In his judgment on the postponement application the judge, Maphias Cheda, said there was no question of the ‘genuineness’ of Bizimana’s non-appearance and Nedbank was ‘being unreasonable’ in refusing to agree to a postponement which would have saved costs.

Nedbank had also been ‘unnecessarily obdurate’ in urging the court to order that Bizimana should pay punitive costs for the postponement hearing. Its legal team had known about Bizimana’s problem and that he could not attend court, but ignored the information apparently hoping that the court would agree to order that Bizimana pay for their wasted travel and accommodation costs. But the court was ‘not a boxing ring’ where victory could be won on ‘technical points’. The bank had been ‘unreasonable’ in opposing the postponement and would not be rewarded by higher costs against Bizimana.

The bank’s next move came some months later when it applied for absolution from the instance at the end of Bizimana’s case, arguing that there was no case to answer as he had signed an indemnity form as well as a ‘general agreement’ exempting the bank for liability.

The bank had to put its case, said the judge. The disputed transaction was ‘surrounded in mystery’ and Nedbank was ‘obliged to shed light as to what happened’.

Kooper then gave her evidence. But in his judgment, now delivered, Judge Cheda said she did not tell the truth. If she had received contradictory instructions through emails, she could easily have called Bizimana to clarify matters as she had dealt with him for a long time and had his contact details. Even more troubling, the alleged email instructions were received only after she had transferred the money to the wrong account.

Kooper’s evidence was not convincing, and was designed to cover up ‘her negligence and/or fraudulent activities’.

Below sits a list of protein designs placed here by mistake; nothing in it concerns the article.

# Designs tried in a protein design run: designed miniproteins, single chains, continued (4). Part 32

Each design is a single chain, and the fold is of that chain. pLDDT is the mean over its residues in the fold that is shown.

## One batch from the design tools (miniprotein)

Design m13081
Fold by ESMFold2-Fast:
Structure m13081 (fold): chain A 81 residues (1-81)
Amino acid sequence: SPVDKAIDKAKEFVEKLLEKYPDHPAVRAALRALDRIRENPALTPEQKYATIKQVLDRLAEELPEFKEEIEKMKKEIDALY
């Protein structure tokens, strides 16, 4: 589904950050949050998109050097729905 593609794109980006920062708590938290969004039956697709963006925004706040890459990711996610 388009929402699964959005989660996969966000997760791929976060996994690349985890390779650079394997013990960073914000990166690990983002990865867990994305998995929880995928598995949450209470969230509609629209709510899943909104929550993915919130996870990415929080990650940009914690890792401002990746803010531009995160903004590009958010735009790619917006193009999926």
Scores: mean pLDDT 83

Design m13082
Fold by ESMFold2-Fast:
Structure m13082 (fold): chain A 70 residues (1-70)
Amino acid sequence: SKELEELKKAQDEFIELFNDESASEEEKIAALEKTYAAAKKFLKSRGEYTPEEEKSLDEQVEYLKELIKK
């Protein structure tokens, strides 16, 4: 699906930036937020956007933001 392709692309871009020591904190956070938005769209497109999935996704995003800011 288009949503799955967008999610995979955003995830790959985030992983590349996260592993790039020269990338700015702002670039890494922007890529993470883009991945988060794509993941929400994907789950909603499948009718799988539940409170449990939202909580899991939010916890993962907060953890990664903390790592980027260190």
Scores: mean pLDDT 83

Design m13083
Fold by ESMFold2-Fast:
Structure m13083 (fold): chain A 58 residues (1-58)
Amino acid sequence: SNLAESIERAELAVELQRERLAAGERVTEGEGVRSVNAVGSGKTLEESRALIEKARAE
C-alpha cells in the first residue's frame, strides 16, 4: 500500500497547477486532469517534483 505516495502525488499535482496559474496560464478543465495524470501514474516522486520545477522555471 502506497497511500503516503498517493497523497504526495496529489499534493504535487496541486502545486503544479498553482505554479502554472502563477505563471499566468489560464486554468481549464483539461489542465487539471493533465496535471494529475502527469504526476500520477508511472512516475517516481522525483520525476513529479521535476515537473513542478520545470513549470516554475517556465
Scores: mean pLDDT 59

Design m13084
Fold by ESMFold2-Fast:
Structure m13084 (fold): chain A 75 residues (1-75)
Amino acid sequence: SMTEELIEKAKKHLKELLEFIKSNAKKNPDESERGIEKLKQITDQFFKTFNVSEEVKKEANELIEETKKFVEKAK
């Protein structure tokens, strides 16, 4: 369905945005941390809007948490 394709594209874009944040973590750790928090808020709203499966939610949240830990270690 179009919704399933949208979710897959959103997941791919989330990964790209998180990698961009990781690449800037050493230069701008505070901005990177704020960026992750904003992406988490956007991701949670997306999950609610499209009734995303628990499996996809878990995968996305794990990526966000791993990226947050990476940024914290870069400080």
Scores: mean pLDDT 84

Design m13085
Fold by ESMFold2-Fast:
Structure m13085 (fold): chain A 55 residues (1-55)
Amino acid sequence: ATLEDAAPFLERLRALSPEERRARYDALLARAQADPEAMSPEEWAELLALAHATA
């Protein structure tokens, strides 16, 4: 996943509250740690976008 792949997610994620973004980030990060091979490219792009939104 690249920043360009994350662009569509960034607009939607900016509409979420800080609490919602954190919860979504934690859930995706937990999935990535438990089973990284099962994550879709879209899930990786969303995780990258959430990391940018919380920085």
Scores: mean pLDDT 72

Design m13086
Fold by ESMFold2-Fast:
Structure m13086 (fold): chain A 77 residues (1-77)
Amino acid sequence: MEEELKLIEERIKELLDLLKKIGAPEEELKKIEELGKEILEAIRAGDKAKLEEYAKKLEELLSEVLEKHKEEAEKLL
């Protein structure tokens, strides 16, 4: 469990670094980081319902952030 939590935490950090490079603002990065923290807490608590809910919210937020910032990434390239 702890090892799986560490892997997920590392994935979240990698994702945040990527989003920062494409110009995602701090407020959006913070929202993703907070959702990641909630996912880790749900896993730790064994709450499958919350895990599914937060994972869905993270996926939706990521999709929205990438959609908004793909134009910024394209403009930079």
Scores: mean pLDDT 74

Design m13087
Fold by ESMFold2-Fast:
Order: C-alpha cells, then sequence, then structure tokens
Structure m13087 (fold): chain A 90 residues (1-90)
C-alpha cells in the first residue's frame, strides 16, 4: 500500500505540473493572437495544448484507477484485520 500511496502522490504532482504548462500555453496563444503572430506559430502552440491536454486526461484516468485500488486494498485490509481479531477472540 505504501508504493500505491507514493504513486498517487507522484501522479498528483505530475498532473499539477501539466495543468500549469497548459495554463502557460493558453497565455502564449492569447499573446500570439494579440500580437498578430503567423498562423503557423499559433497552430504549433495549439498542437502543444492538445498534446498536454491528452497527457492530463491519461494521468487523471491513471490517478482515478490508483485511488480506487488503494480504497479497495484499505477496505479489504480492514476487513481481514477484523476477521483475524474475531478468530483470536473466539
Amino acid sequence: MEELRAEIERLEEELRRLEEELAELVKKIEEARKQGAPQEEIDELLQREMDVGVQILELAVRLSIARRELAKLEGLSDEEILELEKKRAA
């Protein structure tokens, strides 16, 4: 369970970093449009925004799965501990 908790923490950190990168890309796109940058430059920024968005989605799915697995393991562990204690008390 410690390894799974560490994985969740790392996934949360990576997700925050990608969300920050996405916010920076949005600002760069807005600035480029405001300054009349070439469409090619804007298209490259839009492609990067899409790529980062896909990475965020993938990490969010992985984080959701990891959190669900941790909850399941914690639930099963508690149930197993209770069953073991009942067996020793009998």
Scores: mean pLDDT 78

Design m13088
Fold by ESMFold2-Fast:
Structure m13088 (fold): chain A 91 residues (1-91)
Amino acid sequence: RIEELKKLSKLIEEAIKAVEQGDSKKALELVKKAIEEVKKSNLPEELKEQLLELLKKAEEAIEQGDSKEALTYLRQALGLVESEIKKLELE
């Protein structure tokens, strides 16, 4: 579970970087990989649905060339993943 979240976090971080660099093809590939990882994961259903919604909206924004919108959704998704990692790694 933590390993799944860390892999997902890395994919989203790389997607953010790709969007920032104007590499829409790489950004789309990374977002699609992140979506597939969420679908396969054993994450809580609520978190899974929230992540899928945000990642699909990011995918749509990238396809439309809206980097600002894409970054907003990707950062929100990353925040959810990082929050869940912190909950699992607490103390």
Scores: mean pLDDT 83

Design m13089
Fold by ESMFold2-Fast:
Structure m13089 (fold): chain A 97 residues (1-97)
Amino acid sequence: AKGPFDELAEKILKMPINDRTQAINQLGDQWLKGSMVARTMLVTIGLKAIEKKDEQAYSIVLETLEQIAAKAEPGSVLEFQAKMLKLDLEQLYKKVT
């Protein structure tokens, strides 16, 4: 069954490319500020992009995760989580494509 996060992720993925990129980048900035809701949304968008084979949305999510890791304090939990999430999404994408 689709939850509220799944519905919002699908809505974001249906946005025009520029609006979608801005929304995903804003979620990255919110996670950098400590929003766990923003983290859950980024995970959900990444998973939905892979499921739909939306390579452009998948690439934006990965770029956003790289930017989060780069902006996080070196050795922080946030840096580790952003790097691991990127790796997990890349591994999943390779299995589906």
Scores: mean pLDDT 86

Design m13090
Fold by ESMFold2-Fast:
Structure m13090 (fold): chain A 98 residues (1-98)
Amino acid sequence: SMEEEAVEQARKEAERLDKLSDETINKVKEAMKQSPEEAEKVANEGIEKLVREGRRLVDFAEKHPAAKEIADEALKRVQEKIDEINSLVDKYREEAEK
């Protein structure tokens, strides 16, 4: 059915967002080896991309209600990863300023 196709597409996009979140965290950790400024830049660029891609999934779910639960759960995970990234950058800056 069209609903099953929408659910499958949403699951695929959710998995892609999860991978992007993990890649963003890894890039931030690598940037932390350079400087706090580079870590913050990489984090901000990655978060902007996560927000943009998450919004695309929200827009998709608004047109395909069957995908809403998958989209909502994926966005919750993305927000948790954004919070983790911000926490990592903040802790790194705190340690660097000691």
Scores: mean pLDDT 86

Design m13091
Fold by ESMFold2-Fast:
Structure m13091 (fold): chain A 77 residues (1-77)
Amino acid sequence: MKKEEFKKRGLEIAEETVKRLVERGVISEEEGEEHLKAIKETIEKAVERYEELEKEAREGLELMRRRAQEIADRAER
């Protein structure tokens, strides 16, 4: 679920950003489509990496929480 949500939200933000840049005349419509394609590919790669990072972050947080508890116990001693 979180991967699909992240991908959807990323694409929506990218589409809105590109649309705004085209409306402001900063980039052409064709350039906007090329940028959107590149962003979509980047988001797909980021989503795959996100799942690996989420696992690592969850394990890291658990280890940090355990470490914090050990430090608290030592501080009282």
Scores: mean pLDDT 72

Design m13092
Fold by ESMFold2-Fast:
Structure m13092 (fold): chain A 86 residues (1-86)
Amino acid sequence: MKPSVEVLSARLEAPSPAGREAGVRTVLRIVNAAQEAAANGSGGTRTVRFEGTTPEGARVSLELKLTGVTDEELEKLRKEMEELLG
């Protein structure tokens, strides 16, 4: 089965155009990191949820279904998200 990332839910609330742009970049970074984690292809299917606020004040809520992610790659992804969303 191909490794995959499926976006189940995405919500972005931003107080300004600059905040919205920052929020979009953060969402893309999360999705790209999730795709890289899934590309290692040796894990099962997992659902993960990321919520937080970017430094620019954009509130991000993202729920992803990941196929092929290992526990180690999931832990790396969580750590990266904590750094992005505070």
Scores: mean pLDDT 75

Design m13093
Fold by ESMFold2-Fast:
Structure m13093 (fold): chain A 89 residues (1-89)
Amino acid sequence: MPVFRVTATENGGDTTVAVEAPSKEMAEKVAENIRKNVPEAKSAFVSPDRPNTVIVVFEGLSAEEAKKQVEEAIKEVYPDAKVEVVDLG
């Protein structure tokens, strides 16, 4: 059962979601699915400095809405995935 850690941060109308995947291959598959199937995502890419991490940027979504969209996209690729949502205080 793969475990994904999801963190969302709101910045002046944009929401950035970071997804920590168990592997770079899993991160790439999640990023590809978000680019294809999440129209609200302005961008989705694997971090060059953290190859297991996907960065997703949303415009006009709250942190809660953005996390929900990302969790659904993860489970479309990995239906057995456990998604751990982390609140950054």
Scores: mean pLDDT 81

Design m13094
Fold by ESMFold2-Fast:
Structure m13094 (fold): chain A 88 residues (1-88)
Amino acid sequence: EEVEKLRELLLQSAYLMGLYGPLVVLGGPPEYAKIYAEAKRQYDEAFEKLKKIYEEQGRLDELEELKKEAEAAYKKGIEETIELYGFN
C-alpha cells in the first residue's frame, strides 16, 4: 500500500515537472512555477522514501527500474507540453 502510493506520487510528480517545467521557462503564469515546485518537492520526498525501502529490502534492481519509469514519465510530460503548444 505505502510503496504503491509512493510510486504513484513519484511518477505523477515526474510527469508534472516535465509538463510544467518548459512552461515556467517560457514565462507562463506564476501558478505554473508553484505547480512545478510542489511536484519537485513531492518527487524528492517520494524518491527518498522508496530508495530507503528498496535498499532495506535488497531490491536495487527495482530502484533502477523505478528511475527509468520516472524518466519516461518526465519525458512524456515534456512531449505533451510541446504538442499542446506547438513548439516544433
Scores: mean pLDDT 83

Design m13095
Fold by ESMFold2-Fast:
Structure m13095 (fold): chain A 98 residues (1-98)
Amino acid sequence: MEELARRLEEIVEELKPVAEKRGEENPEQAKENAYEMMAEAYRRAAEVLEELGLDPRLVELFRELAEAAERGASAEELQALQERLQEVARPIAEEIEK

Banks were legally obliged to treat clients’ accounts with ‘meticulous care’ and to check for irregularities. Nedbank’s ‘negligence is patent’, breaching its contract to safeguard Faida’s funds. The bank could not rely on its indemnity clauses because courts were ‘loathe’ to let one party ‘wriggle out of a contract without just cause’. A party could not act ‘fraudulently or negligently’ and then still benefit from its own unlawful conduct.

An indemnity should be not used as a ‘shield’ where there was ‘flagrant and brazen dereliction of duty or negligence’. It could also not be used to cover fraudulent activities, and public policy would not allow genuinely innocent parties to become the victims of ‘such nefarious conduct’.

Kooper clearly used an unsigned form to make the transfer from Faida’s account and she did not give a satisfactory answer about why she did so. It was ‘inexcusable’ that the bank did not have proper checks and balances in the system to prevent such an occurrence.

What riled me, probably even more than Kooper’s initial behaviour, was the bank’s subsequent attempts to make it more difficult and expensive for Bizimana – a client of long-standing after all – to bring his claim. Adding insult to injury, this strategy speaks volumes about the bank’s real view of its customers.

See also: Pacta servanda sunt v Ubuntu

(This article is provided for informational purposes only and not for the purpose of providing legal advice. For more information on the topic, please contact the author/s or the relevant provider.)